Eighteenth-century ‘fast fashion’: how the quick tricks of the mantua-maker made sustainable gowns  

In our latest blog post we asked PHD candidate Rebecca Morrison to tell us about her fascinating research into the methods of the skilled Eighteenth-Century clothing creators  known as mantua-makers.

With the opening of the V&A’s new exhibition Fashioned from Nature there has been much in the media about sustainable clothing.  Designers such as Stella McCartney have talked to the press about how little of our clothing is recycled (a shocking 1%), and the resources required to provide today’s ‘fast fashion’.  Few would deny that we are now quite divorced from the process of production.

Our experience of acquiring clothing is probably a trip to the shops, culminating in our purchase being unceremoniously folded into a carrier bag, but this is of course a relatively new occurrence.  Although there have always been a few garments available ‘off-the-peg’, mass produced ready-to-wear clothing only developed in the late nineteenth century.

Before this shift in production, almost all clothing was made bespoke, but not in the way we think of it now.  It was not just the wealthy who had their clothes made to measure, but almost all levels of society.  And although alterations to clothes might be done in the home, most new garments were produced by experienced professionals, the tailor, or the mantua-maker, and it is the latter on which I’ve focused my research.

Untitled
Mantua and petticoat of white brocaded silk, c. 1735-1740, currently on display in Fashioned from Nature at the V&A.  © Victoria and Albert Museum, London.

So, who was the mantua-maker and how did she work? Until the late seventeenth century male tailors made almost all fashionable female outerwear.  However, in the closing decades of the century a new style, known as the mantua, became fashionable.  It was an unstructured gown, worn loose over separate stays (corsets), in stark contrast to the heavily structured bodices and co-ordinating skirts which had typified the formal wear of preceding years.  Seamstresses who had previously been limited to making linen underwear and accessories seized this opportunity to make outerwear.  And within a few decades women were almost exclusively making clothes for women.  In France these seamstresses were known as couturières, and in England mantua-makers.  A moniker that would stick with them, long after the mantua was consigned to fashions past.

The French couturières were granted the right to form guilds, and because of this, a large number of records revealing their working lives remain today – indispensable to the modern historian. The English mantua-makers, however, formed no such organisations. In fact most of them worked very privately and usually from their own homes.  So, without written records how do we find out about these early dressmakers?

Much of my research has involved studying gowns held by the V&A.  Although many were worn by the gentry or nobility, they reveal much broader patterns of cutting and construction techniques, and even aspects of the relationship between client and maker.   I start each study by taking a pattern off the gown, i.e. drawing the pieces of the fabric, the cut and fold lines.  I then record the different stitches and where they have been employed.  I look at the trimmings and linings – how and at what step of the process they are attached.  I also consider alterations – the marks left by earlier seams, and the addition or removal of pieces.  This is a time-consuming process, but a rewarding one.  The longer I spend with each garment the more intimately I come to know it, and the clearer the process of production becomes.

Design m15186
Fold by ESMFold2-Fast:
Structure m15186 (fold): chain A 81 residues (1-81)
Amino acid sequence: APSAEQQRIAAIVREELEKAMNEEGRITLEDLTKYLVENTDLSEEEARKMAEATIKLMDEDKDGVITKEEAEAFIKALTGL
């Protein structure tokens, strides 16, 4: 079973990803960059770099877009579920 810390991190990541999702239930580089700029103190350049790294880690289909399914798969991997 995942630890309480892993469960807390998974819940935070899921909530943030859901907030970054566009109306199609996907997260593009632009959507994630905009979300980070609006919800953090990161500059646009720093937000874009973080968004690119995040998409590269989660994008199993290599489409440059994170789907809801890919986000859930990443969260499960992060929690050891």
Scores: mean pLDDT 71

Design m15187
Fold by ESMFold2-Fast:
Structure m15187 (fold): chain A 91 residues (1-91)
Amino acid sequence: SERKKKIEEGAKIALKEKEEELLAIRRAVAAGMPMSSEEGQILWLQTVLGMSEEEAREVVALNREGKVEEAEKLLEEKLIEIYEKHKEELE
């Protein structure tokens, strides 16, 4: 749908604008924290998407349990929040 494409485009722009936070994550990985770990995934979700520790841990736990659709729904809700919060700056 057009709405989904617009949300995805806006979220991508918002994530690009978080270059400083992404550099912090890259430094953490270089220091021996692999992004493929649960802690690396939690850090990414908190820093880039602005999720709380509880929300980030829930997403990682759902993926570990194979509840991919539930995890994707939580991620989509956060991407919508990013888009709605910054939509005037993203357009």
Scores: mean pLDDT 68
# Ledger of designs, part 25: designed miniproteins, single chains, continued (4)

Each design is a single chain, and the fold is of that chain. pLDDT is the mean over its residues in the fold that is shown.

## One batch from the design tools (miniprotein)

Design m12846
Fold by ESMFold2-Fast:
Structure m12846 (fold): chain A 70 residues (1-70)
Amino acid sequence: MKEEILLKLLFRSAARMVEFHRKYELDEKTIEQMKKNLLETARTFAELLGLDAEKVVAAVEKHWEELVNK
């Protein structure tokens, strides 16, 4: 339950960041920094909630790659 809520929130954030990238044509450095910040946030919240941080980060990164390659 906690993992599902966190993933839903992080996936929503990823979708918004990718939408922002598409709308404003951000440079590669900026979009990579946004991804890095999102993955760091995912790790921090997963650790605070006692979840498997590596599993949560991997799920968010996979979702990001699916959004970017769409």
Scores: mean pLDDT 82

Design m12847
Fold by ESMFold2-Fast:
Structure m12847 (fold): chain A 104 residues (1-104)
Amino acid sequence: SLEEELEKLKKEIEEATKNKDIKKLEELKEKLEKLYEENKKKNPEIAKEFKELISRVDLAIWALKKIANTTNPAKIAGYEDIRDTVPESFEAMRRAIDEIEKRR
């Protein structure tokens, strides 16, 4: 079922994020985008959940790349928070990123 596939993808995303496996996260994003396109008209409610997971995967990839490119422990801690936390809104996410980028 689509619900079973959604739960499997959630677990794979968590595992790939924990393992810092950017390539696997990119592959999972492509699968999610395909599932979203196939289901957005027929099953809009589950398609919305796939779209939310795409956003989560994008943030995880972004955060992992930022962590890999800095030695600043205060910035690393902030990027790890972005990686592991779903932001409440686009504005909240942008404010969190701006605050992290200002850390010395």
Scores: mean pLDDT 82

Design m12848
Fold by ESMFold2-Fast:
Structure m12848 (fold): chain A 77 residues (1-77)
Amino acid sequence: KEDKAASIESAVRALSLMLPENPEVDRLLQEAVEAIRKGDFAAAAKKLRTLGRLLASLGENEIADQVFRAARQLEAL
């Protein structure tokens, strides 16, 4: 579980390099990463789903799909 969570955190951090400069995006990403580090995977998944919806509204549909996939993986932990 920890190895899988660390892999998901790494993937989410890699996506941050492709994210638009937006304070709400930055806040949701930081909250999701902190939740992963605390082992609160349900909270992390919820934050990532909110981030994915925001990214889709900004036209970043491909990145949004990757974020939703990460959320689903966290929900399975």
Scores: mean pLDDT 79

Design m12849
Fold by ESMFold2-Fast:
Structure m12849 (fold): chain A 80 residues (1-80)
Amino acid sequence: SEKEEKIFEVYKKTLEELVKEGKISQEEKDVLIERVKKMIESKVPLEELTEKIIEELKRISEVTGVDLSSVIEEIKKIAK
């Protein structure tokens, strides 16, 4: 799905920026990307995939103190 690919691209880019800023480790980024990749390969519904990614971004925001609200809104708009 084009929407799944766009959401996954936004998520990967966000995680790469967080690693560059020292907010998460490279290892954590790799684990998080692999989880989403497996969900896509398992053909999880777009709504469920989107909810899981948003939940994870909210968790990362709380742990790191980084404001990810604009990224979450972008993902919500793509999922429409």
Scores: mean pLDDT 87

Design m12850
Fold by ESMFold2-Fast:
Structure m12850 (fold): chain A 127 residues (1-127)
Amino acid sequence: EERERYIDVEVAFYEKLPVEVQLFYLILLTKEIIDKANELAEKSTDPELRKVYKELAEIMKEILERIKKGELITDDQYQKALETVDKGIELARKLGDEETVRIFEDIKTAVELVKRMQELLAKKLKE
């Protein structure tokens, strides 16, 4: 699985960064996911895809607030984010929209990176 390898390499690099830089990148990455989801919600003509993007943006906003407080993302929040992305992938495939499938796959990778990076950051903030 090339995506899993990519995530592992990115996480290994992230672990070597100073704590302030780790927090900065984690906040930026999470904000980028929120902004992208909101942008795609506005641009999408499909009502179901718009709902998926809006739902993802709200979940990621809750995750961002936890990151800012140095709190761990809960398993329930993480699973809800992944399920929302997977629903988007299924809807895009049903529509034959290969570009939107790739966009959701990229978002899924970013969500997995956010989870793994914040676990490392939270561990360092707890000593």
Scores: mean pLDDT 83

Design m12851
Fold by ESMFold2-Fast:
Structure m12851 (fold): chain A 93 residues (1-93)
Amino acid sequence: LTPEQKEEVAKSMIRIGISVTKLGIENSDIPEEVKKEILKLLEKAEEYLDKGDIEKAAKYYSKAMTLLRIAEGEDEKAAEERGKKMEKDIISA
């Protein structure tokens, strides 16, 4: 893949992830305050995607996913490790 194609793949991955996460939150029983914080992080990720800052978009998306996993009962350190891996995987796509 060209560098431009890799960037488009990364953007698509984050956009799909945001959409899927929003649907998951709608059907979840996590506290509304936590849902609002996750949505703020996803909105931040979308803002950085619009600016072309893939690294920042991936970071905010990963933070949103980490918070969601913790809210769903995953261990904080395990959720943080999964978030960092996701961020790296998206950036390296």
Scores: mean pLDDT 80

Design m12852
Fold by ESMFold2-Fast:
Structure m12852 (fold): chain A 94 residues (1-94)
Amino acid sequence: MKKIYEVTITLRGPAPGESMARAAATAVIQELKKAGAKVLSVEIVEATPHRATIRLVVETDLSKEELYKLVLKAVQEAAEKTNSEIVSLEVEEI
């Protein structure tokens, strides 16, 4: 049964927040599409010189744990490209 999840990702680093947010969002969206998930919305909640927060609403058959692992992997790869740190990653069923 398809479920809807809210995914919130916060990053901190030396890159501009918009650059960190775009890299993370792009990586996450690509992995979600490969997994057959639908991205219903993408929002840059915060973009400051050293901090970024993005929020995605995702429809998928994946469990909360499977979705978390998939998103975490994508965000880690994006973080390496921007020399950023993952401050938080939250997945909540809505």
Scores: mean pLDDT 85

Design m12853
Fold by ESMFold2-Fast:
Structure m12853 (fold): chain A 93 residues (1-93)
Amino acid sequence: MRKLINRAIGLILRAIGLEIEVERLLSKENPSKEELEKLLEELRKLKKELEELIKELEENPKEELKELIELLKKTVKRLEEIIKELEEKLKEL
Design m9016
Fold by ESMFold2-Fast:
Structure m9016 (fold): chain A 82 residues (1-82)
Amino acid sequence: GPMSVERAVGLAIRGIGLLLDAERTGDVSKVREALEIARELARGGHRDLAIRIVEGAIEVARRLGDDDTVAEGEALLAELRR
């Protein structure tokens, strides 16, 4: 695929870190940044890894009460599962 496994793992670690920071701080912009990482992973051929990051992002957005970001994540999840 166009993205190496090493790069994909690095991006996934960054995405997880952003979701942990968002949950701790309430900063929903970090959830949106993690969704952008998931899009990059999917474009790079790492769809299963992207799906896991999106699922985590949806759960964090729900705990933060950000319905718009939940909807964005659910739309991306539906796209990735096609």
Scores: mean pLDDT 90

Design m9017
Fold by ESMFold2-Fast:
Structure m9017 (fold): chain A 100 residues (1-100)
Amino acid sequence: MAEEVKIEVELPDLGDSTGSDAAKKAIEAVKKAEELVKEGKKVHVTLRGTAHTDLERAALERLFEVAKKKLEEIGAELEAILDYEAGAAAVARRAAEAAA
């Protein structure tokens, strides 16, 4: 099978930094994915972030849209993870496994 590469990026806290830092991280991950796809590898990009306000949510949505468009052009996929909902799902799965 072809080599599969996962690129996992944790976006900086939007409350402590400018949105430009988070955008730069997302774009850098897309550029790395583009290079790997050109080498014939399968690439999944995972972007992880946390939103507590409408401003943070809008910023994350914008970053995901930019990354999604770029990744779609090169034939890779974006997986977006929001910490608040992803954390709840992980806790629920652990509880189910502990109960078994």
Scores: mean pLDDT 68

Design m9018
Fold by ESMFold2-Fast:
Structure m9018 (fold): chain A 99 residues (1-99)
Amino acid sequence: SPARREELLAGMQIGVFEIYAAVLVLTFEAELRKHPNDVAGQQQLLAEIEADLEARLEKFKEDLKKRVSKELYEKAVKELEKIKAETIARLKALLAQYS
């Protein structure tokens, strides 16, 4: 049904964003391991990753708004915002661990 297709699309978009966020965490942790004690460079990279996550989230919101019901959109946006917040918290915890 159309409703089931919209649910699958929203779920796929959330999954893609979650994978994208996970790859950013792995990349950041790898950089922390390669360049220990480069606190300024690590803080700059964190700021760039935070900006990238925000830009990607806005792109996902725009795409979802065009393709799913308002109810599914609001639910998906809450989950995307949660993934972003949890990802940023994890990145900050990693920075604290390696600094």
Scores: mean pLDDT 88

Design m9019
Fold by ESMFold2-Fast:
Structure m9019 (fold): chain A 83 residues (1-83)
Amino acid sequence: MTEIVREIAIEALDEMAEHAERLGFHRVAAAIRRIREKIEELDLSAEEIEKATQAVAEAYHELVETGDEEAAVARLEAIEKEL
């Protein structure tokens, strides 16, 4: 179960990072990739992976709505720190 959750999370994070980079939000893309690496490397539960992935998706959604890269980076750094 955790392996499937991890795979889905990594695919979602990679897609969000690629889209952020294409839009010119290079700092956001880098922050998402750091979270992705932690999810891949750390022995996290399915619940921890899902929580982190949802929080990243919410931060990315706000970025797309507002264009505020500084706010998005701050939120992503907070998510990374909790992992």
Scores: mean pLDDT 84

Clothes 2
Mantua of white brocaded silk, c.1735-40, with train unfolded.  © Victoria and Albert Museum, London.

It is a process that would be unfamiliar to modern consumers. If you were lucky enough to be buying a bespoke dress today a fitting would involve the client trying on the unfinished garment, in either the final fabric or toile made from an inexpensive cloth.  However, the eighteenth-century mantua-maker did not have paper patterns or a dress-stand at her disposal, and the cost of using even a cheap fabric for a toile would have been prohibitive.  Instead she used the client’s body to shape and fold her cloth.  She would pin it in such a way that it could be sewn immediately.

No ‘right-sides’ together, followed by turning inside out.  Long petticoats which do not take much strain would be stitched with a quick running stitch.  Not only fast, but also easy to remove as fashions changed. Economy was important as the cost of fabrics dwarfed the wages of the mantua-maker.  Although these gowns were quick to make they were not ‘fast fashion’.  Rather an investment that could be remade, gifted or sold to the thriving second-hand market. Many of the decisions regarding fit and form could be taken together, between maker and client at the earliest stages of construction.  We’ll never know the details of these conversations, but it must have been a collaborative undertaking.

Drawing
Train pattern taken from the skirt of a mantua, c. 1735-40, shown in the previous image.

There are still many things that baffle me; questions that I hope to answer over the course of my research.  I will continue to delve into archives, hunting down rare written accounts of these women’s lives – bills, letters, court accounts and newspaper advertisements.  I will study each meticulously matched pattern, painstakingly placed stitch in search of makers and clients interwoven in the layers of the gowns they made and inhabited.  Looking and listening for hidden histories, which as Hogarth wrote, reveal ‘the very minds of the people by their dress’.

 

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